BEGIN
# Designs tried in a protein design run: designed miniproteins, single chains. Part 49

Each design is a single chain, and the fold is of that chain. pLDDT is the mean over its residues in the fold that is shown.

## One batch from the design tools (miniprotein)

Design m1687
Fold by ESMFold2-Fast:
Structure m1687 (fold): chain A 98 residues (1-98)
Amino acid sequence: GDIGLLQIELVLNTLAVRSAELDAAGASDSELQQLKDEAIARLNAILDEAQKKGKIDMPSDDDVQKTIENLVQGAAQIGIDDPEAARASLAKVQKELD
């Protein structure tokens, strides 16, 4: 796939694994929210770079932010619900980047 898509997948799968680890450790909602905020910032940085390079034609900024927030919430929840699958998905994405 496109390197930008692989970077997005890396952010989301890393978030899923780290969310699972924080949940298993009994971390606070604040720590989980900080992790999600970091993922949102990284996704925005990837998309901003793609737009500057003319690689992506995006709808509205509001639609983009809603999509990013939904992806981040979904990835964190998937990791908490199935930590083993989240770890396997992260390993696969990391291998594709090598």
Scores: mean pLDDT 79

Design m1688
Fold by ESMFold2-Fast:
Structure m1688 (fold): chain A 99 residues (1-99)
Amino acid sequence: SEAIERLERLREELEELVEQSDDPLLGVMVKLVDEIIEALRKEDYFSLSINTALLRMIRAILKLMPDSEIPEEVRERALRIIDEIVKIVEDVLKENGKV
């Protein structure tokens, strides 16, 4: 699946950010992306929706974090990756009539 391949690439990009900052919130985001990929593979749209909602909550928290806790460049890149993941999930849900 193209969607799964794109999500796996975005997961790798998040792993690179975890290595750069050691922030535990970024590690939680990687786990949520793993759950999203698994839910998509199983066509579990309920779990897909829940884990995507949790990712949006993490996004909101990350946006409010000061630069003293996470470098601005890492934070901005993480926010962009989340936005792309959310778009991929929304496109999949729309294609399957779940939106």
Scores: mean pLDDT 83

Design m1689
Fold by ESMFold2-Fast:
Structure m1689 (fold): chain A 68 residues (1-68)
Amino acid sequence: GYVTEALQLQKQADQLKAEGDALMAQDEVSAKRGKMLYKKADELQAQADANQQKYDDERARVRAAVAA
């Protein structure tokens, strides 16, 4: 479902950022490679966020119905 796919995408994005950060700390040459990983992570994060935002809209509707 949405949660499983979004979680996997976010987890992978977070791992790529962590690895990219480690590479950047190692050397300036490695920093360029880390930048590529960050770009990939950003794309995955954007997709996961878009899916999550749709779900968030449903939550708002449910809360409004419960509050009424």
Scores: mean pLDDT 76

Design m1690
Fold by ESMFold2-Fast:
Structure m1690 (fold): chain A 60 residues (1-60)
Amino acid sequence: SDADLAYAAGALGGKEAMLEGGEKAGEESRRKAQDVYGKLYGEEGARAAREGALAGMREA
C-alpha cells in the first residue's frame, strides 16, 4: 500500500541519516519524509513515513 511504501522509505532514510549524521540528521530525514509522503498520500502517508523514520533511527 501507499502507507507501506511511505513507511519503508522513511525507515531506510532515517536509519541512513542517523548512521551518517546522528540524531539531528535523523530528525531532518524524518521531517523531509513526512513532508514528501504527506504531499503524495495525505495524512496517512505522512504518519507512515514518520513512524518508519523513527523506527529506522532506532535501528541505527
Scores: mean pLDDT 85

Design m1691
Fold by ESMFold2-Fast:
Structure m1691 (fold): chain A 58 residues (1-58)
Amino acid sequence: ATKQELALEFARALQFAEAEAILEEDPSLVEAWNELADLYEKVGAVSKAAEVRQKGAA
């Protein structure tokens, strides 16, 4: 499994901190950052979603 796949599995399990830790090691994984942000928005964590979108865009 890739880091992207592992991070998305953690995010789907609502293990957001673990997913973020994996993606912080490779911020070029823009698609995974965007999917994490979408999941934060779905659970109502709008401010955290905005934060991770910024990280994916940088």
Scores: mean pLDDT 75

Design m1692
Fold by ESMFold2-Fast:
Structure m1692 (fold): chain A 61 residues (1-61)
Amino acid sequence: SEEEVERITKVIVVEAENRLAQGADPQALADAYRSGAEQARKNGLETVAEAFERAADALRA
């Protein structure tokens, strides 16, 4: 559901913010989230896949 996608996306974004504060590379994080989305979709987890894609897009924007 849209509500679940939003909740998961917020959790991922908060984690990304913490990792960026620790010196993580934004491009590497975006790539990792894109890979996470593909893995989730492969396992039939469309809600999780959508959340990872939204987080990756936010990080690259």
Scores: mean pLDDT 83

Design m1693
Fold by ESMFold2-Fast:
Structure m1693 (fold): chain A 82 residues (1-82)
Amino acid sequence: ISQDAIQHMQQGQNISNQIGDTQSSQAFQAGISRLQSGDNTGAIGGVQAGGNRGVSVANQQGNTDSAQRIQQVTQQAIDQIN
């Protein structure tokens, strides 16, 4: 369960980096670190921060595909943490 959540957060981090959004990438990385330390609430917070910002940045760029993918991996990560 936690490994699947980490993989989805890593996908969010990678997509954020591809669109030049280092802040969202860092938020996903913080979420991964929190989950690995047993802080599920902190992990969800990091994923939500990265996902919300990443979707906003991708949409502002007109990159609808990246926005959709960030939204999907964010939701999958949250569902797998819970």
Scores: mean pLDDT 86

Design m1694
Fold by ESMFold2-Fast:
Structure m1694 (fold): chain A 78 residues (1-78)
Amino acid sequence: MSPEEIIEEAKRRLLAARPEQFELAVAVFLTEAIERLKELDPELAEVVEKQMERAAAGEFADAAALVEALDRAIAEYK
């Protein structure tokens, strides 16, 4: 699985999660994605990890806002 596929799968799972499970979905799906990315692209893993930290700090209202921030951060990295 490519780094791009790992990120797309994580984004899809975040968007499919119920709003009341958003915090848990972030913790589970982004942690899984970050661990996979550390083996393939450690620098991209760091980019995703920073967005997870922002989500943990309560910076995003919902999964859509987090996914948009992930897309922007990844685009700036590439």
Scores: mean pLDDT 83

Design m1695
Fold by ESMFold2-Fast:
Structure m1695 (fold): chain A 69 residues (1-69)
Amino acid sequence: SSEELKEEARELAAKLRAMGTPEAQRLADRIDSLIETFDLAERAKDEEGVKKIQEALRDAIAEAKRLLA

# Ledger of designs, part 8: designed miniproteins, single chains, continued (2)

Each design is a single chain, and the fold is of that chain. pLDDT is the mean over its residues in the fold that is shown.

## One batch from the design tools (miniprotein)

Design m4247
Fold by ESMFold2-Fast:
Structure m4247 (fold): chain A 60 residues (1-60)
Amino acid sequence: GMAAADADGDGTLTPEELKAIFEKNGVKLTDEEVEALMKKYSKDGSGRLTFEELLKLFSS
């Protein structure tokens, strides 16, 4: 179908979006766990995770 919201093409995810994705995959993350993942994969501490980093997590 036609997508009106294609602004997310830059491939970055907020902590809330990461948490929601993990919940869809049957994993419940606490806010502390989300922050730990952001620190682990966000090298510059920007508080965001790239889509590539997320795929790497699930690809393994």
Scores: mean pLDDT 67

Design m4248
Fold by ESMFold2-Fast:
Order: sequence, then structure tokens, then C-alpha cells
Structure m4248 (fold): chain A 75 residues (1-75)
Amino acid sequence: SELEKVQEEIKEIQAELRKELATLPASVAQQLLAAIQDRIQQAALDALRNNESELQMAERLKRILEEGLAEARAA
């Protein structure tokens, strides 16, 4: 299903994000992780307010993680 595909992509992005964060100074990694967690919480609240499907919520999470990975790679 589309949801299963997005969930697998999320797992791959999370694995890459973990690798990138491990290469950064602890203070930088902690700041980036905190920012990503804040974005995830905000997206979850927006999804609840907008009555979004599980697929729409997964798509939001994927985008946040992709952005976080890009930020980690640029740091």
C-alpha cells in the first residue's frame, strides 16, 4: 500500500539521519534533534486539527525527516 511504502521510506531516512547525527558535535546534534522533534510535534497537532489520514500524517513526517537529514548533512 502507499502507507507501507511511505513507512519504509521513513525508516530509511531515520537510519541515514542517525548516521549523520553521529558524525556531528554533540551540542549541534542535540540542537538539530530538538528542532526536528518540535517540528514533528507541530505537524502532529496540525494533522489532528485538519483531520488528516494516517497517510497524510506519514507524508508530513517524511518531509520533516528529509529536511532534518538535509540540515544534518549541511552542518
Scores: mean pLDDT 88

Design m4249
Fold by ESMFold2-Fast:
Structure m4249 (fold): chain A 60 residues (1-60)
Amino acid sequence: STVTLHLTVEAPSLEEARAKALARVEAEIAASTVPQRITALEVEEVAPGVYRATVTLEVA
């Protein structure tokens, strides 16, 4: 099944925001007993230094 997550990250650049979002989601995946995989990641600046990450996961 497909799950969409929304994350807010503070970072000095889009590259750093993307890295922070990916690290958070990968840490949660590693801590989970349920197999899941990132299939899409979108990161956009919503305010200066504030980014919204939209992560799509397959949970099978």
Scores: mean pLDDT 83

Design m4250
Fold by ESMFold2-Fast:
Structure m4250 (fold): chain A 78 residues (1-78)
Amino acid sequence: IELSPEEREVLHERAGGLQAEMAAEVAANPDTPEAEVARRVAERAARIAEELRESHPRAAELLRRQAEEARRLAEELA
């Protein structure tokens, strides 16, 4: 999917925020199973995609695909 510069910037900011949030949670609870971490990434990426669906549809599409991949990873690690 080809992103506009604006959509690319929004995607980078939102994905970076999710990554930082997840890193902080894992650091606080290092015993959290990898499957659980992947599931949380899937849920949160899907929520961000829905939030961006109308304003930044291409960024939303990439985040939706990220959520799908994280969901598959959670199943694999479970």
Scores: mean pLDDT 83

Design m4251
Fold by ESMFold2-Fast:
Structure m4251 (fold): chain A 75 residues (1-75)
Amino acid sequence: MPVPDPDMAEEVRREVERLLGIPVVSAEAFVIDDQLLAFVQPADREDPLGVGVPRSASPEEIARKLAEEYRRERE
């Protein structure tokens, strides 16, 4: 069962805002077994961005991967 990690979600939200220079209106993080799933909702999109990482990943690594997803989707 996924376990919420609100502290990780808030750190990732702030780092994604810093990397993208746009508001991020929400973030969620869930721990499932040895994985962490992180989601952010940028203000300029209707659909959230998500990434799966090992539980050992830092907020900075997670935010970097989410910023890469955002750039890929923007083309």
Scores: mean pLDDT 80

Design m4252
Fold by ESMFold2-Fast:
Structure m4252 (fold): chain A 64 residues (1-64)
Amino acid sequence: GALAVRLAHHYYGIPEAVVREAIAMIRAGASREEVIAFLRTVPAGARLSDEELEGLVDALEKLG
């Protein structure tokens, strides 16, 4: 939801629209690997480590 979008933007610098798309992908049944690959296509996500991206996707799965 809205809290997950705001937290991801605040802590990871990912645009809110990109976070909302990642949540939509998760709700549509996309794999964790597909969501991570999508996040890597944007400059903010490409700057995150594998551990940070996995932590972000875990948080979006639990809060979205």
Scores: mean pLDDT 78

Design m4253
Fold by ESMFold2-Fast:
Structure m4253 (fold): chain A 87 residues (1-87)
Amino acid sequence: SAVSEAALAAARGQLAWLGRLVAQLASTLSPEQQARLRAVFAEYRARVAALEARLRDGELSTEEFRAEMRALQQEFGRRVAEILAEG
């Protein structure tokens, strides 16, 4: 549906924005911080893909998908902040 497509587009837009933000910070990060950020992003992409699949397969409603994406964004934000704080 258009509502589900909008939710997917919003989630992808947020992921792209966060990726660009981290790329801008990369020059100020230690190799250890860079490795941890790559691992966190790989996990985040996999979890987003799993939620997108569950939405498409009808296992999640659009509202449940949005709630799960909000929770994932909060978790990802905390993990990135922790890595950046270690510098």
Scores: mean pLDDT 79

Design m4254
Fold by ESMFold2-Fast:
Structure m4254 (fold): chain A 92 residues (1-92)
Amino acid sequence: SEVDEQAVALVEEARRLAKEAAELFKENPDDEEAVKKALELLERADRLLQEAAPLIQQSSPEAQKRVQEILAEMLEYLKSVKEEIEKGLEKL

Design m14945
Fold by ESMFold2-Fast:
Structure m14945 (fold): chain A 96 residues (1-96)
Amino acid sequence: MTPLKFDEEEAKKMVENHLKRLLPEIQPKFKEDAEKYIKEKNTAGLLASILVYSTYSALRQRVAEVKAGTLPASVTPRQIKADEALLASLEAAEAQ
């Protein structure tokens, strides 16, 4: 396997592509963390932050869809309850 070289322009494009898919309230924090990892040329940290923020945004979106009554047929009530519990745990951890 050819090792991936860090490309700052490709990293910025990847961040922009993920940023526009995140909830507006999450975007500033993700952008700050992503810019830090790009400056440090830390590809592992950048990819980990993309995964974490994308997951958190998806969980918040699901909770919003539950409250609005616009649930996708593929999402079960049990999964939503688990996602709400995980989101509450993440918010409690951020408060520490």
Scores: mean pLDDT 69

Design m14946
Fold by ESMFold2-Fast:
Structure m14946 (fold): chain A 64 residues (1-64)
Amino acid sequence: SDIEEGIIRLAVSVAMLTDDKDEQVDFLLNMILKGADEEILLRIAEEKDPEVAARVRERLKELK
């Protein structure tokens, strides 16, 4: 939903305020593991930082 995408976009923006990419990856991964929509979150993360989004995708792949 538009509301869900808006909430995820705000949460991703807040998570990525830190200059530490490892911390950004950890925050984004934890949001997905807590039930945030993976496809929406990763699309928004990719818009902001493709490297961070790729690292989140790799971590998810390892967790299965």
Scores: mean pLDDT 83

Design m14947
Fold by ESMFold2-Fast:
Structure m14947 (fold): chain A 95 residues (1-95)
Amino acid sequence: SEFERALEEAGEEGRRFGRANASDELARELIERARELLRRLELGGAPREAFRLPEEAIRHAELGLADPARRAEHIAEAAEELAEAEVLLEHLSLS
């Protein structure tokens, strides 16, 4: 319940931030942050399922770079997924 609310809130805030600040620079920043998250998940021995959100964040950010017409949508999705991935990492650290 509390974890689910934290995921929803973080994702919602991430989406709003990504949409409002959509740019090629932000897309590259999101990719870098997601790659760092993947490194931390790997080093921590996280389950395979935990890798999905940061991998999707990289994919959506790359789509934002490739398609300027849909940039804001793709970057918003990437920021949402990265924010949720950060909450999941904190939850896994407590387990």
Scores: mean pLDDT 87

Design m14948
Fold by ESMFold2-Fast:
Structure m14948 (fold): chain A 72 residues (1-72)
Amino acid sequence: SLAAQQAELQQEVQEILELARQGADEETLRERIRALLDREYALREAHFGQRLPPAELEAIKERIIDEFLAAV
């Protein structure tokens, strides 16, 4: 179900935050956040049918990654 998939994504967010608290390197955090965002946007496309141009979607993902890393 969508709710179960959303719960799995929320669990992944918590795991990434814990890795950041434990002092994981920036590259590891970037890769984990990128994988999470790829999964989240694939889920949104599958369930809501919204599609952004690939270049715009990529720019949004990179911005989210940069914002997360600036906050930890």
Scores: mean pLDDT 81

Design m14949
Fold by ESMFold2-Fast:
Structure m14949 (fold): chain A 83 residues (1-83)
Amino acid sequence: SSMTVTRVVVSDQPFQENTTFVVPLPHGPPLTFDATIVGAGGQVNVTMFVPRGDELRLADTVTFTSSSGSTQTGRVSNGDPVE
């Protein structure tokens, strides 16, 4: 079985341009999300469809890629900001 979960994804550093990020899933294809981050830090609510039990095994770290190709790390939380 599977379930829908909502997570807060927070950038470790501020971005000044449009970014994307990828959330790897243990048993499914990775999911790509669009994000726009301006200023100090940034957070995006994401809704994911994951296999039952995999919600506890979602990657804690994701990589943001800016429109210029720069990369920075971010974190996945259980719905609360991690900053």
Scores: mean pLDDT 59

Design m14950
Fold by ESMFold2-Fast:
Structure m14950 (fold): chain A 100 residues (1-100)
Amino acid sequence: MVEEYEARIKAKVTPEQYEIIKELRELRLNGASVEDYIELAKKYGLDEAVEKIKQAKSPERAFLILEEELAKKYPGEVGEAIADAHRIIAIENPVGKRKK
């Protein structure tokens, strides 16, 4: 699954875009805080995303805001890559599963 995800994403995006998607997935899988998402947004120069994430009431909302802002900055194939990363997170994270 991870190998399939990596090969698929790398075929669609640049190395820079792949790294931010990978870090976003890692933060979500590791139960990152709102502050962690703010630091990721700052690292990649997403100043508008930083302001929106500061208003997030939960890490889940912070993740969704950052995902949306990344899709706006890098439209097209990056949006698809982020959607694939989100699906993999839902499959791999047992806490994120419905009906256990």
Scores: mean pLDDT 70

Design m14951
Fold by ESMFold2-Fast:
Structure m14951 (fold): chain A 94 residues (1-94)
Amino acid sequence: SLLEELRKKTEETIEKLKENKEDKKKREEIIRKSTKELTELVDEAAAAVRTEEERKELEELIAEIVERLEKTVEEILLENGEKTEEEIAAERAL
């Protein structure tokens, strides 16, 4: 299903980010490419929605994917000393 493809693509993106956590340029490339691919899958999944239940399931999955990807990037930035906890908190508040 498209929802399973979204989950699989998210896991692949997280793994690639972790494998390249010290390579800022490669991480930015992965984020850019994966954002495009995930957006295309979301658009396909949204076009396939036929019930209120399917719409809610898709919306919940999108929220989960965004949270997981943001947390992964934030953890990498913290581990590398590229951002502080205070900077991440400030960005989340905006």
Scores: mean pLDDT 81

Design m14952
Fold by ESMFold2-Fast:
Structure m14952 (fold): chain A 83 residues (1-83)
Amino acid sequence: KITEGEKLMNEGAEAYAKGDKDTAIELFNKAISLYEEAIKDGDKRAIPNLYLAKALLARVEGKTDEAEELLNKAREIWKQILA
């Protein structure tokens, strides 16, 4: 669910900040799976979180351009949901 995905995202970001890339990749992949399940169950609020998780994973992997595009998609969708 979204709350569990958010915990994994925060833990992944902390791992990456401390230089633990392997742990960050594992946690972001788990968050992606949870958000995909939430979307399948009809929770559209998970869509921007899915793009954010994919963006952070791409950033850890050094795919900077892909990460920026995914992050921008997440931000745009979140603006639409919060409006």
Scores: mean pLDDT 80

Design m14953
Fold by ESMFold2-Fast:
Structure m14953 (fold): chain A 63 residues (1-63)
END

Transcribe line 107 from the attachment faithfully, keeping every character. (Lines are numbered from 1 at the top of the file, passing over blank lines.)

Design m14945